David Soar (Leporello) i statue Nuccia Focile (Donna Elvira) in Don Giovanni by WNO Photo: Richard H Smtih

Welsh National Opera at Liverpool Empire

by Denis Joe October 2011

Mozart: Don Giovanni
Rossini: The Barber of Seville
Janá?ek: Katya Kabanova

 

Sadly, the Welsh National Opera only visit Liverpool for one season in a year, and is one of the highlights of the year. Opera in Britain is really strong with regional companies such as Welsh National Opera, Opera North and Scottish Opera consistently produce seasons of the highest quality, bringing neglected works to the public. Opera has had a reputation for being an elitist art form, but since the late 1980s, when I first started to go to see live opera, it was not unusual to see young people in jeans and t-shirts in the audience. The idea that the entrance fee is prohibitive is also a myth as it is no more expensive than a football match and far cheaper than going to see a band at some local stadium.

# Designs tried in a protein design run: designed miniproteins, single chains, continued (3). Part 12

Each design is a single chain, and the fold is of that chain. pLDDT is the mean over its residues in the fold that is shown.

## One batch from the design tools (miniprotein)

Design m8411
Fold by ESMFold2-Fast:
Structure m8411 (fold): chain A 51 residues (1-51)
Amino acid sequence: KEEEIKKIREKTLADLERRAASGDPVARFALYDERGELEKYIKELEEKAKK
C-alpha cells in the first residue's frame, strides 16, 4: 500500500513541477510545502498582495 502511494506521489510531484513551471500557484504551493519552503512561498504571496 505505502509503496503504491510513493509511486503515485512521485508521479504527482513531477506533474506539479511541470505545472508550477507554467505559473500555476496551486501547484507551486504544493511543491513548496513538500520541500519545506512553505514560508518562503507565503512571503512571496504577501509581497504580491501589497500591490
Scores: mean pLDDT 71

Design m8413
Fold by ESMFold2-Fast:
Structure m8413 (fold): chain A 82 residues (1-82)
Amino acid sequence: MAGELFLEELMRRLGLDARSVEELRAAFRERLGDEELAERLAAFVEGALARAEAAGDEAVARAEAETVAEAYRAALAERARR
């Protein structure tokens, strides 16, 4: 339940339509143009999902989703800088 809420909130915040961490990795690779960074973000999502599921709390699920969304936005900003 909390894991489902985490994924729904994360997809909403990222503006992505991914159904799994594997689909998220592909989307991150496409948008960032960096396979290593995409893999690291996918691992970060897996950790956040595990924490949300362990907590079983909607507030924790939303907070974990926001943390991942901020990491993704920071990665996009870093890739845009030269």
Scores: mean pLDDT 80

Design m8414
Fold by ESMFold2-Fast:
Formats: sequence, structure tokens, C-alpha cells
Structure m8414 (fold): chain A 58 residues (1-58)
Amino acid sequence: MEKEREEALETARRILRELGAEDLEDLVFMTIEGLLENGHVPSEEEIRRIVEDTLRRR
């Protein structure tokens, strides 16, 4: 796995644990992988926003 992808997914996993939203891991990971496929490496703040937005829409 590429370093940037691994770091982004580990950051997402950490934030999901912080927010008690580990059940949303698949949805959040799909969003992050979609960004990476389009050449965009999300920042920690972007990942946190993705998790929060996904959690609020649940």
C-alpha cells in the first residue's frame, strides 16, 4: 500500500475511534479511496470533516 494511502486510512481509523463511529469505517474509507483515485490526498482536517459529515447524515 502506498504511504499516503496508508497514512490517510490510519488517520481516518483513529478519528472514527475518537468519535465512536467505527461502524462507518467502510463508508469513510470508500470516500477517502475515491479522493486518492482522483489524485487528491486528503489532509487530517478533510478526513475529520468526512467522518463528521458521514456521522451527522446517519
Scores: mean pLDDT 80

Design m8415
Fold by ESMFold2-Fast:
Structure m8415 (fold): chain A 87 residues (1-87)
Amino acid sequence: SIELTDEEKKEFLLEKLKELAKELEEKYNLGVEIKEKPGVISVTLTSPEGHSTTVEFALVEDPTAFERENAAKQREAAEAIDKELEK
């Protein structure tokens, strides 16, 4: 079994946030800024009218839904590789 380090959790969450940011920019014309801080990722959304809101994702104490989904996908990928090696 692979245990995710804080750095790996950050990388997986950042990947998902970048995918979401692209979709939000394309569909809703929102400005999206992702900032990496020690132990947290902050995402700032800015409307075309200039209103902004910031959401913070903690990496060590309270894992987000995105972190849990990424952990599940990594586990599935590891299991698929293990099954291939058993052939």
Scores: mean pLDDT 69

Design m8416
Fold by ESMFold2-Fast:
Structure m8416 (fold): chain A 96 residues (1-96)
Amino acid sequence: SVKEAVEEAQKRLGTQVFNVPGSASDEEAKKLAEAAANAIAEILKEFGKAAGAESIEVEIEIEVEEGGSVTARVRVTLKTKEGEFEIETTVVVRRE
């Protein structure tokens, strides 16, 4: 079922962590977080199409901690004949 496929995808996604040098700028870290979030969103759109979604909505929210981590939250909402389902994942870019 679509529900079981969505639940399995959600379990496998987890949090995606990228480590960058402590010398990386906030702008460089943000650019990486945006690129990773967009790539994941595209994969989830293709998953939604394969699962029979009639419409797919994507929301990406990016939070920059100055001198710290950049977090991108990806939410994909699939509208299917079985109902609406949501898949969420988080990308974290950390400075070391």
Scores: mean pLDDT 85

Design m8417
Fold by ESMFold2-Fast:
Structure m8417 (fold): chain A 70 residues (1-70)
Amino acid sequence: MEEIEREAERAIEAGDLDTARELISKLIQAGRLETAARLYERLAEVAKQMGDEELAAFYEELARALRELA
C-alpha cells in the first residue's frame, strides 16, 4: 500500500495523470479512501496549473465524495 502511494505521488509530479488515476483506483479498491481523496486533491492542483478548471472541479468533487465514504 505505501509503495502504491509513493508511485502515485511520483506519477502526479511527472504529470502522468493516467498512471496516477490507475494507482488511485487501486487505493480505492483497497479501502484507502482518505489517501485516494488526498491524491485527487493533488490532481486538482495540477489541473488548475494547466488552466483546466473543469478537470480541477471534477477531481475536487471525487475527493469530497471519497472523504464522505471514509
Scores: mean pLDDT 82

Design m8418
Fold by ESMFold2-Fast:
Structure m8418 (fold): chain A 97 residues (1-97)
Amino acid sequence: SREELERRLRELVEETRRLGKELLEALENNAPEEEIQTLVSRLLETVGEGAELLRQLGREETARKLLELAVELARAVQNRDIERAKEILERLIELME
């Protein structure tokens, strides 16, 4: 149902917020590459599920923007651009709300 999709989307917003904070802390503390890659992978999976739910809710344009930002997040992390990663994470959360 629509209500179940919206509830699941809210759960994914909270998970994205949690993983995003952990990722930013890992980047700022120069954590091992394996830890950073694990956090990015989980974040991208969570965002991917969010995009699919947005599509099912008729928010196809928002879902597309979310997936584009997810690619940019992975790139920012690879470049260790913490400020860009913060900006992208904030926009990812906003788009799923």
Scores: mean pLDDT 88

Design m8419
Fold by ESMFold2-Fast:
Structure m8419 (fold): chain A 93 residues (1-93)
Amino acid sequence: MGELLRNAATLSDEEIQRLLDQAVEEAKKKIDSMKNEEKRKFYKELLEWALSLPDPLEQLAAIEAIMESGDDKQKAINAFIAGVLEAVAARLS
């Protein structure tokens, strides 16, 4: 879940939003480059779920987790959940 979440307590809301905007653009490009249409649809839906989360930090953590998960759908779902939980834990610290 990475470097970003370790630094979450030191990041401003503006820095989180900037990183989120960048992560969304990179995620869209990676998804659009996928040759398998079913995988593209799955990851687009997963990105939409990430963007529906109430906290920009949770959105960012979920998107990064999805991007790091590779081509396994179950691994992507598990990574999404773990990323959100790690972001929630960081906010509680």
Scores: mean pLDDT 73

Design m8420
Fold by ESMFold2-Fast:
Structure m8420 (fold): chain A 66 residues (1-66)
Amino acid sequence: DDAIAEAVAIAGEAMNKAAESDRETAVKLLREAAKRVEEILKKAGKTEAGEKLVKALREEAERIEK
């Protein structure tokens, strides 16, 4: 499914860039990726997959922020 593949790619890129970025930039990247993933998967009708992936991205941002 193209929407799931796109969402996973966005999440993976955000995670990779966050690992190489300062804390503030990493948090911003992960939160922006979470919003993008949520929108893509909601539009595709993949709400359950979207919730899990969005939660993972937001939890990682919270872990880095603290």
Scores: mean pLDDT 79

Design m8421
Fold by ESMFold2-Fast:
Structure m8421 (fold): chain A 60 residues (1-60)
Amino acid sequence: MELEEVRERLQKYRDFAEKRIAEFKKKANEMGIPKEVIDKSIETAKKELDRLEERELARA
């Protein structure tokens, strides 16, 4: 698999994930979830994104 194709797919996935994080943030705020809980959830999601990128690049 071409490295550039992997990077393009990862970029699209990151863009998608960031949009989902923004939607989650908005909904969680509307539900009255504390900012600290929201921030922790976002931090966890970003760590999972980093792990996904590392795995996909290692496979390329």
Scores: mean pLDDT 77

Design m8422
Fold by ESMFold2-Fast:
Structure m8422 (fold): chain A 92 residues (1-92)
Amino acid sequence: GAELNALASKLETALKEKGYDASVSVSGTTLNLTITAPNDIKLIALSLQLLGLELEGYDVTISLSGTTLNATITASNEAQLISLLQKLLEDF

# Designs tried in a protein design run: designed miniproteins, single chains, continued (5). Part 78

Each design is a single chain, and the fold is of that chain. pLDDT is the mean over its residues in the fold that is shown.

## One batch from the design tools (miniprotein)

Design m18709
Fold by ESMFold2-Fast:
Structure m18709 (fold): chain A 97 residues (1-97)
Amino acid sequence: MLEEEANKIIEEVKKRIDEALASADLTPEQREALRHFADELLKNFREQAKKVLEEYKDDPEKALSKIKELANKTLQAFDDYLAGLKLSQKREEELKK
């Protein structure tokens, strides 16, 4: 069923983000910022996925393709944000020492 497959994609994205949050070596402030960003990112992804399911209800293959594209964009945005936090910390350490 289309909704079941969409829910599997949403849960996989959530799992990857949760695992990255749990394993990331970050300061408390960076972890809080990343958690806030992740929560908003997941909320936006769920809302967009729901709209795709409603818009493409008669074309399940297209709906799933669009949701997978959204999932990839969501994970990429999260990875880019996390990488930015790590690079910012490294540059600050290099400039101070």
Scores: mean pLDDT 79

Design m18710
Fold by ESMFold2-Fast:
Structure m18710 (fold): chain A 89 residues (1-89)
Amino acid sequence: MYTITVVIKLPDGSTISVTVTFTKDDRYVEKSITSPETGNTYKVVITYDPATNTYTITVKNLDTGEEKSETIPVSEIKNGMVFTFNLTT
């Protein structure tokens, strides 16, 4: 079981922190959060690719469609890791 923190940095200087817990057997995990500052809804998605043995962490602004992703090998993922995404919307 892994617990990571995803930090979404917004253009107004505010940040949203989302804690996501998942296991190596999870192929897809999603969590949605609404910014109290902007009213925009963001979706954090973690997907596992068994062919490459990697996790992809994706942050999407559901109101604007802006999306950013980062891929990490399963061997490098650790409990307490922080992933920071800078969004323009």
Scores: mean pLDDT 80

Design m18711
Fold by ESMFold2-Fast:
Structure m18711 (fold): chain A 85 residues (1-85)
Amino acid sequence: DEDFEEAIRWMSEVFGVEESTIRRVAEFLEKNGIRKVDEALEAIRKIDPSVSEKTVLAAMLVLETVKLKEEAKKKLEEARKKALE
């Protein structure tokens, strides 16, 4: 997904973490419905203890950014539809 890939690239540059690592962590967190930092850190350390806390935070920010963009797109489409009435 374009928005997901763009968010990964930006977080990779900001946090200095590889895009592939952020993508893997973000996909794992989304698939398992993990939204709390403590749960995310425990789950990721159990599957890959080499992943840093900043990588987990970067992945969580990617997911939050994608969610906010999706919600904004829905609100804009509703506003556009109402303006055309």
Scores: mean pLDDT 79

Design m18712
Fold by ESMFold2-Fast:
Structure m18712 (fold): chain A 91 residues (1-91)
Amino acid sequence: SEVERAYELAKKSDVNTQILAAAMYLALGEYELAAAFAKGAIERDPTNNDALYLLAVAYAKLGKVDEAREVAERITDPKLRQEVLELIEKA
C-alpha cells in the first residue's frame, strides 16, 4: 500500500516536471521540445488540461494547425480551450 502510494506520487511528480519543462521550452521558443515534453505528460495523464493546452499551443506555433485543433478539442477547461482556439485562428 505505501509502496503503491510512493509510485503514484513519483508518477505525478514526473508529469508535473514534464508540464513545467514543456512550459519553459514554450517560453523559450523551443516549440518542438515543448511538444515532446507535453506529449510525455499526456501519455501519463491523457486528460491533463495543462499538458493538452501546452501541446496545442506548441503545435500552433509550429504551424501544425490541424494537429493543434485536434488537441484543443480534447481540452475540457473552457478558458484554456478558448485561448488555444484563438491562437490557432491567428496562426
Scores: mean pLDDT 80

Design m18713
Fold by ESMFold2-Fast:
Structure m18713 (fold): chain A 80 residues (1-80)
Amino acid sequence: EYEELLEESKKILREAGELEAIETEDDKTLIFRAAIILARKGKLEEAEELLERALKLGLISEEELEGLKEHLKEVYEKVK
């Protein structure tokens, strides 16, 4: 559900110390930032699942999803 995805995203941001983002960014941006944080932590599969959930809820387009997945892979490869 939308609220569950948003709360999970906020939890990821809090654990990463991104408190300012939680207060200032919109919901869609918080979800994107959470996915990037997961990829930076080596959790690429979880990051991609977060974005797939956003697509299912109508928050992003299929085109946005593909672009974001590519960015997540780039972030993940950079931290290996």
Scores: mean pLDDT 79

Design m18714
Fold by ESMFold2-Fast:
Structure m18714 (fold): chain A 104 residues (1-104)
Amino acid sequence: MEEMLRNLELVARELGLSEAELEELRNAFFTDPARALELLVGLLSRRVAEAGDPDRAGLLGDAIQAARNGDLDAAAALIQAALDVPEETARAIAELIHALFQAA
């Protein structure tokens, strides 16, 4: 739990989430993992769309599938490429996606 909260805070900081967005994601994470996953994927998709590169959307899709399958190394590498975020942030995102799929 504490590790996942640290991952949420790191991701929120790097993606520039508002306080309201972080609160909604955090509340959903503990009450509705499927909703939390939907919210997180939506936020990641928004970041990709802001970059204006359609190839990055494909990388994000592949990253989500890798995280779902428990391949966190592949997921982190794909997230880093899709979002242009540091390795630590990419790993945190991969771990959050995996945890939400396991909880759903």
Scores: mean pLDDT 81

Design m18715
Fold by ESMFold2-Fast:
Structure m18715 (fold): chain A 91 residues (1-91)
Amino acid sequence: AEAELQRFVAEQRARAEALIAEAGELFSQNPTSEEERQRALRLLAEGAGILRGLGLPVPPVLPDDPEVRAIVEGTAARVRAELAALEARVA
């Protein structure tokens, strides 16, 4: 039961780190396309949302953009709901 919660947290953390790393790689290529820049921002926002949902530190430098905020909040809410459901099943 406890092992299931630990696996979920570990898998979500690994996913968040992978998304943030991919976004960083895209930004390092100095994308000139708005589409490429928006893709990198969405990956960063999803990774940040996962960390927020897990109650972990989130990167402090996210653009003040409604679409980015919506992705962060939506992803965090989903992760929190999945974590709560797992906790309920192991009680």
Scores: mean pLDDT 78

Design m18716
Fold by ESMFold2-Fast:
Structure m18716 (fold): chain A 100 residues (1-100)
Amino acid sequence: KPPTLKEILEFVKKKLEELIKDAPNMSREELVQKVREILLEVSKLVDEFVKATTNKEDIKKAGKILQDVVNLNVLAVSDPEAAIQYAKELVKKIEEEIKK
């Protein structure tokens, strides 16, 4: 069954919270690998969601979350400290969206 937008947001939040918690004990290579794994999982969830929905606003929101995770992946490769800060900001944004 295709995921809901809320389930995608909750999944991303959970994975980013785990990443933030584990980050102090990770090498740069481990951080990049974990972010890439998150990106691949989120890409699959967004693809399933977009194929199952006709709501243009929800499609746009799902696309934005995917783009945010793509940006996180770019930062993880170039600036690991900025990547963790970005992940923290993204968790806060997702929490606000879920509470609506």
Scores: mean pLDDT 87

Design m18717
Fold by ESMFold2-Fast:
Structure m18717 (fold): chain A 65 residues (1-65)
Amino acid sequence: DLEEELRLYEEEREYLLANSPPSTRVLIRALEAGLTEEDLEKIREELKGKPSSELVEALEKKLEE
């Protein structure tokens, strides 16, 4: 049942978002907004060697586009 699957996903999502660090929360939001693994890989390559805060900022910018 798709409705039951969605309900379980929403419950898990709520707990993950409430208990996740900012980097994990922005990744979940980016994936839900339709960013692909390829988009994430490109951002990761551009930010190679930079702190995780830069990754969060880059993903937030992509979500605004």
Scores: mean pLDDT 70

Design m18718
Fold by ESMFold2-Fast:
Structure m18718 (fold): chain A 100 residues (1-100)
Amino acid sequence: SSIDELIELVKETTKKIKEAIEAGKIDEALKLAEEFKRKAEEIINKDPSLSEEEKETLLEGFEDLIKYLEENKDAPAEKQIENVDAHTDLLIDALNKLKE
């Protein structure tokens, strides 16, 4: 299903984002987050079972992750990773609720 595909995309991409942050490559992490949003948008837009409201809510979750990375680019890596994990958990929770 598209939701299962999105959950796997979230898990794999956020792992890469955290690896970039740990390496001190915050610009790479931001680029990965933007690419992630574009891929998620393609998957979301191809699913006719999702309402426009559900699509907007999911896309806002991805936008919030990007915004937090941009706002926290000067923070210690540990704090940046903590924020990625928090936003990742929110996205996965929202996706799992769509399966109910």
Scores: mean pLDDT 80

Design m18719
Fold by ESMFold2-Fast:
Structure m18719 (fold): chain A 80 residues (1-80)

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Manchester theatre reviews

All the Way Home

All the Way Home by Ayub Khan-Din

Presented by Library Theatre in association with The Lowry, directed by Mark Babych

Reviewed by Jane Turner October 2011

 

Award-winning playwright Ayub Khan-Din has returned to his native Salford for the world premiere of his new play All The Way Home, performed by the highly respected Library Theatre Company opening their new season in association with The Lowry.